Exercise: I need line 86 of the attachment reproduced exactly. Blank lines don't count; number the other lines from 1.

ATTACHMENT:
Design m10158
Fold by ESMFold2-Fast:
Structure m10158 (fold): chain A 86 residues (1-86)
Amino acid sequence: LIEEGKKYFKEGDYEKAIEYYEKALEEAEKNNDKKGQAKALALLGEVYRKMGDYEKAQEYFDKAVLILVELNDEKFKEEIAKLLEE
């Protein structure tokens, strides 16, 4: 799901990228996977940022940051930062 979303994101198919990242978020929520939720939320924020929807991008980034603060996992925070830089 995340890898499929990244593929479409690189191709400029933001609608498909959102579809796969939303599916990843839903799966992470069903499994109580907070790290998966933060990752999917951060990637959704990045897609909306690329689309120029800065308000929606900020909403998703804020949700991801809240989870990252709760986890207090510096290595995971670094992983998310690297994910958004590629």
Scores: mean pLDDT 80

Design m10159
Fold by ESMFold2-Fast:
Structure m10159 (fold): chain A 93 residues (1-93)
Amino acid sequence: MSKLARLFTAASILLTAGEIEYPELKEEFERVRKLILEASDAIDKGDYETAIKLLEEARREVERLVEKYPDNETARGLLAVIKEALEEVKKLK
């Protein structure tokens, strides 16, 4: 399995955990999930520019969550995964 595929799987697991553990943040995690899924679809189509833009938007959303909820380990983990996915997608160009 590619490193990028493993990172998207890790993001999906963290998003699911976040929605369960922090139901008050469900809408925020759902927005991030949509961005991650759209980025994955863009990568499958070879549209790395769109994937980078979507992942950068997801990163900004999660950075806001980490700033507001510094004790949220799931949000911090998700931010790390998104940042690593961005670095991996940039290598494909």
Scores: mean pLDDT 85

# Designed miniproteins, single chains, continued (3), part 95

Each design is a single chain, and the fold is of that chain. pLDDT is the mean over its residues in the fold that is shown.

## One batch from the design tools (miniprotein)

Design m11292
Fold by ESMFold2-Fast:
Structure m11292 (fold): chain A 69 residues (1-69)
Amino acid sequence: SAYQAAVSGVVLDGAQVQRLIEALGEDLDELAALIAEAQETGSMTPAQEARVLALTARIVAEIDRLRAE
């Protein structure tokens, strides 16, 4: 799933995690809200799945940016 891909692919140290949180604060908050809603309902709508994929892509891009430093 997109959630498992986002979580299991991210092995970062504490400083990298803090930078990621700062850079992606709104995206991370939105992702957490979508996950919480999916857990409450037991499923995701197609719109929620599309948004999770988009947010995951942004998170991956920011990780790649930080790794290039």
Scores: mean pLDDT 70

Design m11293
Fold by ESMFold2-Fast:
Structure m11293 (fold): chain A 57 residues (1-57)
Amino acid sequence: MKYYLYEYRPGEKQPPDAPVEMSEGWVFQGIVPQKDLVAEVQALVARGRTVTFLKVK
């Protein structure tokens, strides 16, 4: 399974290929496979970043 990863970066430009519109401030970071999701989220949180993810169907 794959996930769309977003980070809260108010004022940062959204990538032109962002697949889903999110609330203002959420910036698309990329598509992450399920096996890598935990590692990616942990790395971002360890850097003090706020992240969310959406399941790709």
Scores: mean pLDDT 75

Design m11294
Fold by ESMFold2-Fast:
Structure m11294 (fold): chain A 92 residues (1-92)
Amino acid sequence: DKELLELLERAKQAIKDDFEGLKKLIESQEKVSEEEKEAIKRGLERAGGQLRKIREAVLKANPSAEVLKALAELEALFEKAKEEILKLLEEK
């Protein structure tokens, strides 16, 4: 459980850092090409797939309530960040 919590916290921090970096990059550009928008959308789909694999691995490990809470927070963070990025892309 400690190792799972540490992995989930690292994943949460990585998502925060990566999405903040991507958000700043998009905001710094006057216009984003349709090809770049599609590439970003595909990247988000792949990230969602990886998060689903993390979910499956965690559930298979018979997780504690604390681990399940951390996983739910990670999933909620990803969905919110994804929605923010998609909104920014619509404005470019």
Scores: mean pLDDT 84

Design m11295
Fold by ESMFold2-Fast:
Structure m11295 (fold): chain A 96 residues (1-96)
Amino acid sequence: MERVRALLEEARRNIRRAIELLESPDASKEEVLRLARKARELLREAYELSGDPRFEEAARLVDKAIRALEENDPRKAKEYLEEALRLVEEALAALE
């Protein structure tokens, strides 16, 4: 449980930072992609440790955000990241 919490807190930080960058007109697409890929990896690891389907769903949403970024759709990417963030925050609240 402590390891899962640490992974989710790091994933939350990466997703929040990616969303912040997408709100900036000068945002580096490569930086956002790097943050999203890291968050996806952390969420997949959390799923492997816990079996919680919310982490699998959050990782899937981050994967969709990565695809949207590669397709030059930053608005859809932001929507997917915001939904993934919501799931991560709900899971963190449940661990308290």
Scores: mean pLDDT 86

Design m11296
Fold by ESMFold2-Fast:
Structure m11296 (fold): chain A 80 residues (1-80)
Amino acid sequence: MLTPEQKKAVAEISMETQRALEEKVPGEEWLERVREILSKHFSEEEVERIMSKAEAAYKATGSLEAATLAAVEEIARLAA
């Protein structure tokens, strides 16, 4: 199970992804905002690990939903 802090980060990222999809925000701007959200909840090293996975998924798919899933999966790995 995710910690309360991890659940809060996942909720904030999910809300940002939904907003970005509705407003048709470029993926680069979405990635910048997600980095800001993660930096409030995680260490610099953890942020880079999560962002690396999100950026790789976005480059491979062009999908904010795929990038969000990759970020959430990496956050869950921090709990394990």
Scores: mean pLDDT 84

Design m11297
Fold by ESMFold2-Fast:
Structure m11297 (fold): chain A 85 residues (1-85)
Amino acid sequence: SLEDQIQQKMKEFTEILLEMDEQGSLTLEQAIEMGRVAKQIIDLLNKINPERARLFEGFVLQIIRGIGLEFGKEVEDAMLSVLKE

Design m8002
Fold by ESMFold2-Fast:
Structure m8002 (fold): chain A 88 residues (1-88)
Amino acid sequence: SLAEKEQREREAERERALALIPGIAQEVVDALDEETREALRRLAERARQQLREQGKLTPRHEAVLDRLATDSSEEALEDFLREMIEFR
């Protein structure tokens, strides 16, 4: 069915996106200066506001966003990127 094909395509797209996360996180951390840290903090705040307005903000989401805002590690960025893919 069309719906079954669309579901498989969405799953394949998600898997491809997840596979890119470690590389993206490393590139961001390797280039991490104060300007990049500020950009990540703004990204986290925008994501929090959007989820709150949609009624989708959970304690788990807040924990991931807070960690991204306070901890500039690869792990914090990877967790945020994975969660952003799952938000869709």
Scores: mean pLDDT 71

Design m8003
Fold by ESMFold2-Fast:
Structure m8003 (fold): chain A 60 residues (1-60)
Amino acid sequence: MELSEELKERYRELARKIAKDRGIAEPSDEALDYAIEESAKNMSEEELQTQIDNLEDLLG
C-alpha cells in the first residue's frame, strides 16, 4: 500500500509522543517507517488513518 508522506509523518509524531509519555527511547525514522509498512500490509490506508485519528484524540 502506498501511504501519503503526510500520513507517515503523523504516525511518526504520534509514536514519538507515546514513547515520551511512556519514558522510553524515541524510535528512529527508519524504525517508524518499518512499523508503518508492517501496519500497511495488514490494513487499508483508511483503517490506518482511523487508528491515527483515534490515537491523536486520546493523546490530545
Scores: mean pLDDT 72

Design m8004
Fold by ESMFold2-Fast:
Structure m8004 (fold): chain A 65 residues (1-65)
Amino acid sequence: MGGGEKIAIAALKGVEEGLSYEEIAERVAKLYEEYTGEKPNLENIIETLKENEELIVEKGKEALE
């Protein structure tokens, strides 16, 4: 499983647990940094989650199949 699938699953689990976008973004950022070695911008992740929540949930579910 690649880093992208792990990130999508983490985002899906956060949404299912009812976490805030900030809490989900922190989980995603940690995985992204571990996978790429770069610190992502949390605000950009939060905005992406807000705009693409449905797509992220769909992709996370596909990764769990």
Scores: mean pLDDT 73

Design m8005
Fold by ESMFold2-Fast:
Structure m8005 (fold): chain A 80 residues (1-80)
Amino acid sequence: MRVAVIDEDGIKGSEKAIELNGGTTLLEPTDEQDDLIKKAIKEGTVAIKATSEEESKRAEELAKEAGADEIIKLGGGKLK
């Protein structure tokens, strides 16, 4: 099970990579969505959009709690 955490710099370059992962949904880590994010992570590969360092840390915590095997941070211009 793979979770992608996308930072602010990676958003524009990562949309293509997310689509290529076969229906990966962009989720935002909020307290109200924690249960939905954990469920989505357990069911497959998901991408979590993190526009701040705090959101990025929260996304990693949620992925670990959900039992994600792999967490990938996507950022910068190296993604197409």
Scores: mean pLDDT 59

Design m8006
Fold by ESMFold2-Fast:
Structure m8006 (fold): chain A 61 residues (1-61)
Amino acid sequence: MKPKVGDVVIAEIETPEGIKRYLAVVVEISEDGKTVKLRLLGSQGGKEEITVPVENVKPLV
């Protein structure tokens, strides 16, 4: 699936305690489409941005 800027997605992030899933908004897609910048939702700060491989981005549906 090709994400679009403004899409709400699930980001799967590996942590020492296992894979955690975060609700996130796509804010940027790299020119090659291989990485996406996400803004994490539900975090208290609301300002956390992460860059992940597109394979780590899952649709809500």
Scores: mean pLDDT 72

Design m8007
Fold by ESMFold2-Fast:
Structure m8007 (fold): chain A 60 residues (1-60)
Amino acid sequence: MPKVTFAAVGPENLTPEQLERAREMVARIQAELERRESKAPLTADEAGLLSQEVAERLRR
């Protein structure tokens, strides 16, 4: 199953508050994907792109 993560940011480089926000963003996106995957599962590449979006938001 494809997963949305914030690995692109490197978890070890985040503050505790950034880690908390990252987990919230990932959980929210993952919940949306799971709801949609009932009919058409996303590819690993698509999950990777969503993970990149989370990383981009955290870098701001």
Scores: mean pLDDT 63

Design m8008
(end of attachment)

Design m8008